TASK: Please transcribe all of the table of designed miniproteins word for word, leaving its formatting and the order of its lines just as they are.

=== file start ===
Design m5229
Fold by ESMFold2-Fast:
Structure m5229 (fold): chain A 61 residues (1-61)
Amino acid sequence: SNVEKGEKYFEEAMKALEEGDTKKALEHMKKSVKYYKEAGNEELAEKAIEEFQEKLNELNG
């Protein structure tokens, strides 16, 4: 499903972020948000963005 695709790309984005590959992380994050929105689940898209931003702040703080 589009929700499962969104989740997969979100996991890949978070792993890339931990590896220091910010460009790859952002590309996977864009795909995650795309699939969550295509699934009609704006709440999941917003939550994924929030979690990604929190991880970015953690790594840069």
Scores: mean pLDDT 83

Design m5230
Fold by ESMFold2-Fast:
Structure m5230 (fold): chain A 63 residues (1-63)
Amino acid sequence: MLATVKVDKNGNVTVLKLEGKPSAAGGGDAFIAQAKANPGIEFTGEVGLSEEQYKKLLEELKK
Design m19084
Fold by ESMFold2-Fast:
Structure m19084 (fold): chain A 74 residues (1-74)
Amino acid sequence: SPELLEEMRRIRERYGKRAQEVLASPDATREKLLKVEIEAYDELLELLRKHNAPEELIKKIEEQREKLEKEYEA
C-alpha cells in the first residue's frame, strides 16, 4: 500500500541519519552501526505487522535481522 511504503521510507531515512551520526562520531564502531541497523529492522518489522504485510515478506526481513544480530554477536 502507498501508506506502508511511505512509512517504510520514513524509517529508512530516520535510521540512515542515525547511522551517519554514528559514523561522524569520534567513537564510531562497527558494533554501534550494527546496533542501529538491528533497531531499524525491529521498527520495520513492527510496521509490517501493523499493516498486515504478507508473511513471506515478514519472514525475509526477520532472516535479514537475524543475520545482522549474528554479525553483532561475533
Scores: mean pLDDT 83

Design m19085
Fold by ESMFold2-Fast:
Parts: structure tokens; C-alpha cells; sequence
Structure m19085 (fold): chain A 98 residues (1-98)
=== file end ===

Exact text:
Design m5229
Fold by ESMFold2-Fast:
Structure m5229 (fold): chain A 61 residues (1-61)
Amino acid sequence: SNVEKGEKYFEEAMKALEEGDTKKALEHMKKSVKYYKEAGNEELAEKAIEEFQEKLNELNG
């Protein structure tokens, strides 16, 4: 499903972020948000963005 695709790309984005590959992380994050929105689940898209931003702040703080 589009929700499962969104989740997969979100996991890949978070792993890339931990590896220091910010460009790859952002590309996977864009795909995650795309699939969550295509699934009609704006709440999941917003939550994924929030979690990604929190991880970015953690790594840069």
Scores: mean pLDDT 83

Design m5230
Fold by ESMFold2-Fast:
Structure m5230 (fold): chain A 63 residues (1-63)
Amino acid sequence: MLATVKVDKNGNVTVLKLEGKPSAAGGGDAFIAQAKANPGIEFTGEVGLSEEQYKKLLEELKK
Design m19084
Fold by ESMFold2-Fast:
Structure m19084 (fold): chain A 74 residues (1-74)
Amino acid sequence: SPELLEEMRRIRERYGKRAQEVLASPDATREKLLKVEIEAYDELLELLRKHNAPEELIKKIEEQREKLEKEYEA
C-alpha cells in the first residue's frame, strides 16, 4: 500500500541519519552501526505487522535481522 511504503521510507531515512551520526562520531564502531541497523529492522518489522504485510515478506526481513544480530554477536 502507498501508506506502508511511505512509512517504510520514513524509517529508512530516520535510521540512515542515525547511522551517519554514528559514523561522524569520534567513537564510531562497527558494533554501534550494527546496533542501529538491528533497531531499524525491529521498527520495520513492527510496521509490517501493523499493516498486515504478507508473511513471506515478514519472514525475509526477520532472516535479514537475524543475520545482522549474528554479525553483532561475533
Scores: mean pLDDT 83

Design m19085
Fold by ESMFold2-Fast:
Parts: structure tokens; C-alpha cells; sequence
Structure m19085 (fold): chain A 98 residues (1-98)